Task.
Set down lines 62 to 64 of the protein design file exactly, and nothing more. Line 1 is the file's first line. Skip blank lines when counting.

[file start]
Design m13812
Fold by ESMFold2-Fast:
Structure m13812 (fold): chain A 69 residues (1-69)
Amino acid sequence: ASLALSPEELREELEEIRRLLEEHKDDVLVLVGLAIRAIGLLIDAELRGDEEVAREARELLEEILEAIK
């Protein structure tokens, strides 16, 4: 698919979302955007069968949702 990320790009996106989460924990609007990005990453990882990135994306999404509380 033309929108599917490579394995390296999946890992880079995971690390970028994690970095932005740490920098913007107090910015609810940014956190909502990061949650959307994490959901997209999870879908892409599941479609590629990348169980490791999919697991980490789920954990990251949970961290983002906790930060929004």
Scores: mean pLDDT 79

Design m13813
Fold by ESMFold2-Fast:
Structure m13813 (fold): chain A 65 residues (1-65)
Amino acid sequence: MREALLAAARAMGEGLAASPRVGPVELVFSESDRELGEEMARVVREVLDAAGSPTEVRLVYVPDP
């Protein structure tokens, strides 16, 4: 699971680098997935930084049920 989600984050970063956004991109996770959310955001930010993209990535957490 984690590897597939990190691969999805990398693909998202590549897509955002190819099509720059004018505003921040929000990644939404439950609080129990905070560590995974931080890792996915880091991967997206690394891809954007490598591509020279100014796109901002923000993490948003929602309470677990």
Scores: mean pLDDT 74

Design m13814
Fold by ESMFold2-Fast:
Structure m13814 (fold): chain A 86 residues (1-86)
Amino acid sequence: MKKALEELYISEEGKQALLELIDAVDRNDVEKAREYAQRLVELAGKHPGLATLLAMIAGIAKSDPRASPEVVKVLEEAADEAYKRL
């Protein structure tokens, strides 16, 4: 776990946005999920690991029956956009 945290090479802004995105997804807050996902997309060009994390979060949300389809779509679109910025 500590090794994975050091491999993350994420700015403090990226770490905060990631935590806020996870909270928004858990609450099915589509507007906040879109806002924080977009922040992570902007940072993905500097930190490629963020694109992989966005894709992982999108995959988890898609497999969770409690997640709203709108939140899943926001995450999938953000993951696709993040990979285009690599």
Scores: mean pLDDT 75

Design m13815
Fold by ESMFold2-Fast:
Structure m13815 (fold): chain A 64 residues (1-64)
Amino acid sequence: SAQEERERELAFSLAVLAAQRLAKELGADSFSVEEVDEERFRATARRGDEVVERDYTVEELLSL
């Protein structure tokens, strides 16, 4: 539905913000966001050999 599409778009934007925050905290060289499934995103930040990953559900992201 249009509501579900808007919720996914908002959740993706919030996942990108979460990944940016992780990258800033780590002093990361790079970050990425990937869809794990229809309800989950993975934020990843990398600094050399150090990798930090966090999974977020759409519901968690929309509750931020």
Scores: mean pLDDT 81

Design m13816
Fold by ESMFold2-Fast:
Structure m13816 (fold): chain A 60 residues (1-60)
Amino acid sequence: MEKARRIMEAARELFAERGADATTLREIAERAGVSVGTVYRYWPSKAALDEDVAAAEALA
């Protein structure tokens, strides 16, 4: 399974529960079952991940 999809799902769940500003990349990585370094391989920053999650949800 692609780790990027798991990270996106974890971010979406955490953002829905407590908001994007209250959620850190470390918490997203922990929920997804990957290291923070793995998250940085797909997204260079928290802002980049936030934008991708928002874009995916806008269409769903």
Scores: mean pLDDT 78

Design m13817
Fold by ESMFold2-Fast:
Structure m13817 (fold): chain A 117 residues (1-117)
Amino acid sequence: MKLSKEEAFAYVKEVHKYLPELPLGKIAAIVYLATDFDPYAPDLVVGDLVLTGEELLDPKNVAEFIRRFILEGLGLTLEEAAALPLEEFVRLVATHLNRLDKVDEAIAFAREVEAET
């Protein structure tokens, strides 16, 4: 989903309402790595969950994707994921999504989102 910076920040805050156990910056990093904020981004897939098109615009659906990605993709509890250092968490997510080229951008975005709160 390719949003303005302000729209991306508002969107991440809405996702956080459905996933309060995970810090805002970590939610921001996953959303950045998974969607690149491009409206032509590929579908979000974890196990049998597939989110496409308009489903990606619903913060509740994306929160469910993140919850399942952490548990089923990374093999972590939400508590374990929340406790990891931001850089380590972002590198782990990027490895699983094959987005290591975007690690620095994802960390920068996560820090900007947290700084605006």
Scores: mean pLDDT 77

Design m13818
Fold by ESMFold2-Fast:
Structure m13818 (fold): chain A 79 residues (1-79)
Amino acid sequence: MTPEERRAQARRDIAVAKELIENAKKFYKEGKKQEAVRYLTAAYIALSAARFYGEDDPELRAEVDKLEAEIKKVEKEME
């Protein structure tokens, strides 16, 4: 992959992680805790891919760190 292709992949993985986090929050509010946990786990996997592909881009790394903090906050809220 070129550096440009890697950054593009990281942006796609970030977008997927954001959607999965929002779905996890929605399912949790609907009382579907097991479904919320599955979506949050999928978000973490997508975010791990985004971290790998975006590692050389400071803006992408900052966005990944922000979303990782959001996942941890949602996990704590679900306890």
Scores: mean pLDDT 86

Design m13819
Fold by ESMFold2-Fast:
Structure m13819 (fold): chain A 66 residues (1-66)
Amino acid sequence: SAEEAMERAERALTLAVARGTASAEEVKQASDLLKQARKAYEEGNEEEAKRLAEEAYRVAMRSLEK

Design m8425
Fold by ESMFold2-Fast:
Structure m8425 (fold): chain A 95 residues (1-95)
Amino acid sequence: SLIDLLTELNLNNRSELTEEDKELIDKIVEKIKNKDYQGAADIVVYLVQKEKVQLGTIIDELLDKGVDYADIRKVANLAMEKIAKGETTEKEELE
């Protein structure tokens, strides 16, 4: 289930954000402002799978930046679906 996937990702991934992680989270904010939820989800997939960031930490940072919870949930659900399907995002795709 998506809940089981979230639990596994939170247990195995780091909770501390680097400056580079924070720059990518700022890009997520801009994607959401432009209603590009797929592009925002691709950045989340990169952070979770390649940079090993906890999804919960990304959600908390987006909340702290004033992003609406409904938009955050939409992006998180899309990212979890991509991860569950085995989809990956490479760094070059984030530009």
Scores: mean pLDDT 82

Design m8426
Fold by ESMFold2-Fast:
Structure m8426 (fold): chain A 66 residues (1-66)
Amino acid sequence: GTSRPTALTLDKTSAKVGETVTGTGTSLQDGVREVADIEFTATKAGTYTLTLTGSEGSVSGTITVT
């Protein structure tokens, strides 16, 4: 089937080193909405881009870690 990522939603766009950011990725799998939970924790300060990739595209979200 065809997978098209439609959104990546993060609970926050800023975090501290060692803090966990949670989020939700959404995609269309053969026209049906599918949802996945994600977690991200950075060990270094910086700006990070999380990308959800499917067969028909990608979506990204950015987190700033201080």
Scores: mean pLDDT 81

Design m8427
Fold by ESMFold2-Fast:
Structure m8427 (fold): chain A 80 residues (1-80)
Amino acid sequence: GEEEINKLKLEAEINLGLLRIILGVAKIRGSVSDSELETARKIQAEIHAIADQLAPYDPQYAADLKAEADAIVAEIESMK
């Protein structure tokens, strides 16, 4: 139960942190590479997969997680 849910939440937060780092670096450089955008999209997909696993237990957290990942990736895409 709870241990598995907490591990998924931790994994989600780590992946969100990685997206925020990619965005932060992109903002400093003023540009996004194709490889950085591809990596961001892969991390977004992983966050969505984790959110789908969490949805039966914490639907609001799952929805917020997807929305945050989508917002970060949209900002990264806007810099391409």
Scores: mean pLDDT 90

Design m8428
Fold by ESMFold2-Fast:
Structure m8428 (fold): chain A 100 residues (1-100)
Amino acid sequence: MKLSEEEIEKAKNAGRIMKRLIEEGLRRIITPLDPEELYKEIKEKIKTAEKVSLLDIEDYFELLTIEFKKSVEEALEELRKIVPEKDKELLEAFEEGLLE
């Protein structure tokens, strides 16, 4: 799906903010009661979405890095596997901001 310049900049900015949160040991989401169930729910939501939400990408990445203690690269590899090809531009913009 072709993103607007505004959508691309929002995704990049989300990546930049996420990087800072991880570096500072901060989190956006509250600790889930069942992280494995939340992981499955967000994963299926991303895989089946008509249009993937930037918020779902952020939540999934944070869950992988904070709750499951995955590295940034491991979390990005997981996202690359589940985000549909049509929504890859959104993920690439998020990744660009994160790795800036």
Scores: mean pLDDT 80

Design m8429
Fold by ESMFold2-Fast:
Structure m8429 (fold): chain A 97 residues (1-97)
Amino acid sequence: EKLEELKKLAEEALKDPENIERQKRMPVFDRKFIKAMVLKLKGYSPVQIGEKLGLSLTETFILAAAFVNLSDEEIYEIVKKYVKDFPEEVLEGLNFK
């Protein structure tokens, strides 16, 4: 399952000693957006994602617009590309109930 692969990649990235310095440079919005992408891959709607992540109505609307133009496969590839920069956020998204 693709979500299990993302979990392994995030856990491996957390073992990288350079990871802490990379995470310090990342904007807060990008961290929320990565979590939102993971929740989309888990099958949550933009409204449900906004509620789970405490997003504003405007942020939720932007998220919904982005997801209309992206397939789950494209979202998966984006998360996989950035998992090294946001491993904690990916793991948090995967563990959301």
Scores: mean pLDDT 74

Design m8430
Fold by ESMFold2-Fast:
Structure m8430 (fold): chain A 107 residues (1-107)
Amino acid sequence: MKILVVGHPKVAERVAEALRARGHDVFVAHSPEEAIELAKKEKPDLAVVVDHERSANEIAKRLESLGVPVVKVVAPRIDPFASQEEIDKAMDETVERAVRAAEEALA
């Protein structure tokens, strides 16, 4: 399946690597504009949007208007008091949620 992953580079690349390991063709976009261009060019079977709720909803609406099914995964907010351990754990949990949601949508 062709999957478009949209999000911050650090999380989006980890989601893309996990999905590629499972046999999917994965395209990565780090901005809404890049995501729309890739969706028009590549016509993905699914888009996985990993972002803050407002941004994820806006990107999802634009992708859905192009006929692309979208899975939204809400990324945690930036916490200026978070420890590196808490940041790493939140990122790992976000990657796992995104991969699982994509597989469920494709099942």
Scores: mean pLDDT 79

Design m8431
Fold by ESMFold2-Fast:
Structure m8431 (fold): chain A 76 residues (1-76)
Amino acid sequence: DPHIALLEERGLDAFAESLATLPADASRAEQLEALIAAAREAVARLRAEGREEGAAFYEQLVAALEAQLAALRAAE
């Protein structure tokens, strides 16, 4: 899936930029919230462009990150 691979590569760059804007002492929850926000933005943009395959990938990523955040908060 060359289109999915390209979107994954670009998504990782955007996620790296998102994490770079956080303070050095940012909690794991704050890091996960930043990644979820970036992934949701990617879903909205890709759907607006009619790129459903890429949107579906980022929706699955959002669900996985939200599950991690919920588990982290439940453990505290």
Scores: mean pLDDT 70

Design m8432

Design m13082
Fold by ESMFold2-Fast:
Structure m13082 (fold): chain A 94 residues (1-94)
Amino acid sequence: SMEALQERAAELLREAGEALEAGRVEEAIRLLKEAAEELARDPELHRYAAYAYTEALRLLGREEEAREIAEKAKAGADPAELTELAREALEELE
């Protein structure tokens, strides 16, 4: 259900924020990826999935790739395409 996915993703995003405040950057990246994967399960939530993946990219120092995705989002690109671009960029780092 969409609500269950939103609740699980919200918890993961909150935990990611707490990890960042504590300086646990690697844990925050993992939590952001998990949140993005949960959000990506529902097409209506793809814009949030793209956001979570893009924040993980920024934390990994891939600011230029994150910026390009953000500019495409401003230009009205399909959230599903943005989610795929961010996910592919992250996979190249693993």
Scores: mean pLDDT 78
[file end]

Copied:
Amino acid sequence: GEEEINKLKLEAEINLGLLRIILGVAKIRGSVSDSELETARKIQAEIHAIADQLAPYDPQYAADLKAEADAIVAEIESMK
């Protein structure tokens, strides 16, 4: 139960942190590479997969997680 849910939440937060780092670096450089955008999209997909696993237990957290990942990736895409 709870241990598995907490591990998924931790994994989600780590992946969100990685997206925020990619965005932060992109903002400093003023540009996004194709490889950085591809990596961001892969991390977004992983966050969505984790959110789908969490949805039966914490639907609001799952929805917020997807929305945050989508917002970060949209900002990264806007810099391409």
Scores: mean pLDDT 90